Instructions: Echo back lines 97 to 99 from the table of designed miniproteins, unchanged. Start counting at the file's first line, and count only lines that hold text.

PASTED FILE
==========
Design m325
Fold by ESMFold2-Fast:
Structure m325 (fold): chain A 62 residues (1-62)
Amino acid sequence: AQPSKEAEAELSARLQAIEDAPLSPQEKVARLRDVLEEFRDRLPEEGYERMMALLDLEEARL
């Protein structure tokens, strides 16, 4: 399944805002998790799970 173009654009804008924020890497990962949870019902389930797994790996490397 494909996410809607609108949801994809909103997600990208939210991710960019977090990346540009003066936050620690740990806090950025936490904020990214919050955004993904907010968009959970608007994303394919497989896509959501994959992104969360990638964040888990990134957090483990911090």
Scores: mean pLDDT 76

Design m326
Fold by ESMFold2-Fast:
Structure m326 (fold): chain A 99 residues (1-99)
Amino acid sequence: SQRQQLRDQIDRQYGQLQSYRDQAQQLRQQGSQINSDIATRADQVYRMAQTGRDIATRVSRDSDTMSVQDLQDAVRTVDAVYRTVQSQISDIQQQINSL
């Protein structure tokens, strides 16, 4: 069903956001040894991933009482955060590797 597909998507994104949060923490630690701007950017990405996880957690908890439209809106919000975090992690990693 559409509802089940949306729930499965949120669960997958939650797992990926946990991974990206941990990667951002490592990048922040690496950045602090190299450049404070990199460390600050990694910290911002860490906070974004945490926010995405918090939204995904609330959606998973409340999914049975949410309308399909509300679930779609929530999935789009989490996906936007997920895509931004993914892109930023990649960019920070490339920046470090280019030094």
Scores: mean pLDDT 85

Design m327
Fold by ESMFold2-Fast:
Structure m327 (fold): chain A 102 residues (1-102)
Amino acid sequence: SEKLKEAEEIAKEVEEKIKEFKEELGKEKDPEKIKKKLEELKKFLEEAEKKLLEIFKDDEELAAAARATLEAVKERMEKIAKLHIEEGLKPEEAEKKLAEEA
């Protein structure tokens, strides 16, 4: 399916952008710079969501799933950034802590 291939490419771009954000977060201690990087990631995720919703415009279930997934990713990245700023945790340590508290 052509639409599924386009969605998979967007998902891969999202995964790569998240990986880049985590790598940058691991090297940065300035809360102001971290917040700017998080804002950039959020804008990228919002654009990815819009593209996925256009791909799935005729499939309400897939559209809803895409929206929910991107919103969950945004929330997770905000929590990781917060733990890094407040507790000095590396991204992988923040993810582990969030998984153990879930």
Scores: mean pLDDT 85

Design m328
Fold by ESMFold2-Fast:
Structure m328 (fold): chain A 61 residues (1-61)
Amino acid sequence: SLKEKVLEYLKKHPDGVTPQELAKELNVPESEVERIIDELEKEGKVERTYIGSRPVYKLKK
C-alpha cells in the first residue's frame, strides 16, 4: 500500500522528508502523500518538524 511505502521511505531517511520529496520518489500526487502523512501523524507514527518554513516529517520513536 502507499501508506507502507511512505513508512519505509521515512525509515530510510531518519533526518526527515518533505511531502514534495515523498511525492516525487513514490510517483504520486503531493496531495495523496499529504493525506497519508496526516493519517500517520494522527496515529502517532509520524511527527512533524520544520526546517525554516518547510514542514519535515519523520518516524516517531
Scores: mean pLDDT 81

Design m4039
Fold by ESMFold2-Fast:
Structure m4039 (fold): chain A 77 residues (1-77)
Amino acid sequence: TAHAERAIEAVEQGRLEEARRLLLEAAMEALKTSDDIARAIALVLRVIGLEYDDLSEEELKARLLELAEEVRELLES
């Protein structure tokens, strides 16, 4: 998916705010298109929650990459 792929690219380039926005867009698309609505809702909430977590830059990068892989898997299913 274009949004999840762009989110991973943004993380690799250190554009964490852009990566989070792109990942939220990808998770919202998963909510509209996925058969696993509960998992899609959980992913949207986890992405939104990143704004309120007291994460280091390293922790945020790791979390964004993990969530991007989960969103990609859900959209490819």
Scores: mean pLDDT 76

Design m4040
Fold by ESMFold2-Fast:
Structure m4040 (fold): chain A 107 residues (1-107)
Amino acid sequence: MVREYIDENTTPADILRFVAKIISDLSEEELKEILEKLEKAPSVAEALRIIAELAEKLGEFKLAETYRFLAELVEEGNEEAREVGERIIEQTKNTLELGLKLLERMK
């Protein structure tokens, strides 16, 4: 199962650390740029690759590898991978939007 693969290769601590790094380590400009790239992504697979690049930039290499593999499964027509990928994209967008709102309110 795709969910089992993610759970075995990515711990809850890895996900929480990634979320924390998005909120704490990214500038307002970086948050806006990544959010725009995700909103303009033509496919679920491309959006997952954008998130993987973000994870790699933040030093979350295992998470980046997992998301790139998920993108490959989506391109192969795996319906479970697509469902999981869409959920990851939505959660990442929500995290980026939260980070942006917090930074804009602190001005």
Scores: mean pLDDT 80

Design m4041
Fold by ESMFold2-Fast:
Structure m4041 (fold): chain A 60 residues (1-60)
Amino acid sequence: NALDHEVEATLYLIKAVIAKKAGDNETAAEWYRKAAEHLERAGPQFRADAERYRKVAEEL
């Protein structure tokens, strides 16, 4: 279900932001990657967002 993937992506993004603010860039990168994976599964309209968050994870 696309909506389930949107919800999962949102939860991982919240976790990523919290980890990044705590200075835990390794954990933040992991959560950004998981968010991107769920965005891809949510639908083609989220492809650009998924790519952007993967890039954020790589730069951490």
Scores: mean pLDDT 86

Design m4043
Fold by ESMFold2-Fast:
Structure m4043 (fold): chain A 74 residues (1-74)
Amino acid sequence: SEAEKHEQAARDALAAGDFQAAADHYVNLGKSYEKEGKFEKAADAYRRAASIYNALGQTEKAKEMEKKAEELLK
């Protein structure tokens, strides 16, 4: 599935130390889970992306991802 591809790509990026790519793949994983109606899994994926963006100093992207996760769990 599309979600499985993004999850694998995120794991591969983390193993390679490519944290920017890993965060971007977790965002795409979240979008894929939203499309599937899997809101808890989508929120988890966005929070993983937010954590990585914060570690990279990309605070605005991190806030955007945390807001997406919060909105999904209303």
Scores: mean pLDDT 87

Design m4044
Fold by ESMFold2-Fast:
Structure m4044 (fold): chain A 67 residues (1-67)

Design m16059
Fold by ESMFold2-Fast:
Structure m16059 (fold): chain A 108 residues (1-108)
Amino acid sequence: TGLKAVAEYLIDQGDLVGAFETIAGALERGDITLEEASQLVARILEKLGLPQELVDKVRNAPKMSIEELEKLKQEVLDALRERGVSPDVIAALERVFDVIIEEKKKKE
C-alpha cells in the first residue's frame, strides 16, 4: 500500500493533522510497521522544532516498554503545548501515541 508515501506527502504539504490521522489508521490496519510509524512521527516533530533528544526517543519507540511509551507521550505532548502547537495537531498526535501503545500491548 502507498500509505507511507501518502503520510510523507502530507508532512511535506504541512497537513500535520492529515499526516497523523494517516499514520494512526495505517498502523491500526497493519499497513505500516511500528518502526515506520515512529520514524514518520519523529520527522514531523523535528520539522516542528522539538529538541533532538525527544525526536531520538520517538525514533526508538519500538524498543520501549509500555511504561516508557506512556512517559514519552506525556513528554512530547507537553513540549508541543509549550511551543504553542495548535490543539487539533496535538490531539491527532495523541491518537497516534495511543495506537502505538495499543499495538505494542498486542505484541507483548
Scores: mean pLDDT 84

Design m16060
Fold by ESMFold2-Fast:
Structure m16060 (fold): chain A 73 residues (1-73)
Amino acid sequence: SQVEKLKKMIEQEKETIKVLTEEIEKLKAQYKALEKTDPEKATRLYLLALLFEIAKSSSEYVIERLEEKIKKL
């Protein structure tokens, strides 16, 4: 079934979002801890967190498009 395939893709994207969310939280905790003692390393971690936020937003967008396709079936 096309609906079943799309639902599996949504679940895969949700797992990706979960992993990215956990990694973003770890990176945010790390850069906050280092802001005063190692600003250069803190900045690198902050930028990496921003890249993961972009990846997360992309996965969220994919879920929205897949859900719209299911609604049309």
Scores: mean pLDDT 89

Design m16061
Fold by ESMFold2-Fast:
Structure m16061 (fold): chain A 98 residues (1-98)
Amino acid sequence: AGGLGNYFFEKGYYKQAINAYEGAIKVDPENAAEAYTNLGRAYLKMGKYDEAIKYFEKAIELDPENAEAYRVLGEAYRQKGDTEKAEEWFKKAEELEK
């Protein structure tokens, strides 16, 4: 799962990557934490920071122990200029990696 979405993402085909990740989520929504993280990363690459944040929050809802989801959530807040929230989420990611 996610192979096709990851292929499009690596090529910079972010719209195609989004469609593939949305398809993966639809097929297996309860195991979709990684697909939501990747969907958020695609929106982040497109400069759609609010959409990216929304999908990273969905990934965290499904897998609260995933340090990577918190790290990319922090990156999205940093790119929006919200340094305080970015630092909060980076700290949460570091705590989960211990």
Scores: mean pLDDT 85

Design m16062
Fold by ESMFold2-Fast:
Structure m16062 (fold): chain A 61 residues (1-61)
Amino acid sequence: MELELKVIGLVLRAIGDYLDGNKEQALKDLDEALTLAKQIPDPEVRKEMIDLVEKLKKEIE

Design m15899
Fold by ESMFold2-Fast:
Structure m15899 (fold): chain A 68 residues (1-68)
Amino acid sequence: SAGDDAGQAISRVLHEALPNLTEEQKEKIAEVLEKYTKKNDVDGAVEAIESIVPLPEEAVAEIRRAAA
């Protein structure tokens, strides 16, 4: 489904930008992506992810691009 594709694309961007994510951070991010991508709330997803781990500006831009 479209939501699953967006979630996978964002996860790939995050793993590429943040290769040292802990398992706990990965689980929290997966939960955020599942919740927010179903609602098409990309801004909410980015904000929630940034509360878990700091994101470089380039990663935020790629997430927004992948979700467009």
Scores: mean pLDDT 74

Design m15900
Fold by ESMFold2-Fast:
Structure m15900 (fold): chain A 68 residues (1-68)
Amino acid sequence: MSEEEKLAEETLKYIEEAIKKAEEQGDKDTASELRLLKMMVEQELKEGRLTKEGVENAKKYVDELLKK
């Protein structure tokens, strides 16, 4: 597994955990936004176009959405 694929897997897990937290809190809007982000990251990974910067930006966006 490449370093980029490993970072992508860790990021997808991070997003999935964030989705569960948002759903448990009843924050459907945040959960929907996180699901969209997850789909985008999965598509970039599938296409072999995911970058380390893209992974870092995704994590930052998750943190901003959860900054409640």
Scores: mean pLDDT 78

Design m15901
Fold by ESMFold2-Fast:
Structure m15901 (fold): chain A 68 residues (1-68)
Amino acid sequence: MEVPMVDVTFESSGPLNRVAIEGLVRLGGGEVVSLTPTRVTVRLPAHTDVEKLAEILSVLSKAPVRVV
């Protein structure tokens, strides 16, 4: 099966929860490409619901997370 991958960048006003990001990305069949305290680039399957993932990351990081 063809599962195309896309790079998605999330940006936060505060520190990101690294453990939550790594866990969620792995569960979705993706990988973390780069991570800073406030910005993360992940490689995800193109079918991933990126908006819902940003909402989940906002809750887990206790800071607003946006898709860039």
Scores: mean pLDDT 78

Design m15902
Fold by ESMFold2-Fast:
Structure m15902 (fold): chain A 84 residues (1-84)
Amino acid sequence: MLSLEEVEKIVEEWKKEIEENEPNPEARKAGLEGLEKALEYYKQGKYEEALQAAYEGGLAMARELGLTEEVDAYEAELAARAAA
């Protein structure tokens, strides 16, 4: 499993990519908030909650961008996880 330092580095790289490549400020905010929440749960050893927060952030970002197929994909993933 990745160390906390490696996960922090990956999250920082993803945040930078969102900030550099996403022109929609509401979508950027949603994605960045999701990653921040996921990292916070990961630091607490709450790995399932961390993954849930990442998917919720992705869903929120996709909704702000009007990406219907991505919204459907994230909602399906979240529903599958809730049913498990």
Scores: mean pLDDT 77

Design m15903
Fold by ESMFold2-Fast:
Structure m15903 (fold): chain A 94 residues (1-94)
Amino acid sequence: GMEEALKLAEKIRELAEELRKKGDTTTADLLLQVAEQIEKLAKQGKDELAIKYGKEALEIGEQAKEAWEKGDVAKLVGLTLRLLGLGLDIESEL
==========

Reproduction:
Scores: mean pLDDT 77

Design m15903
Fold by ESMFold2-Fast: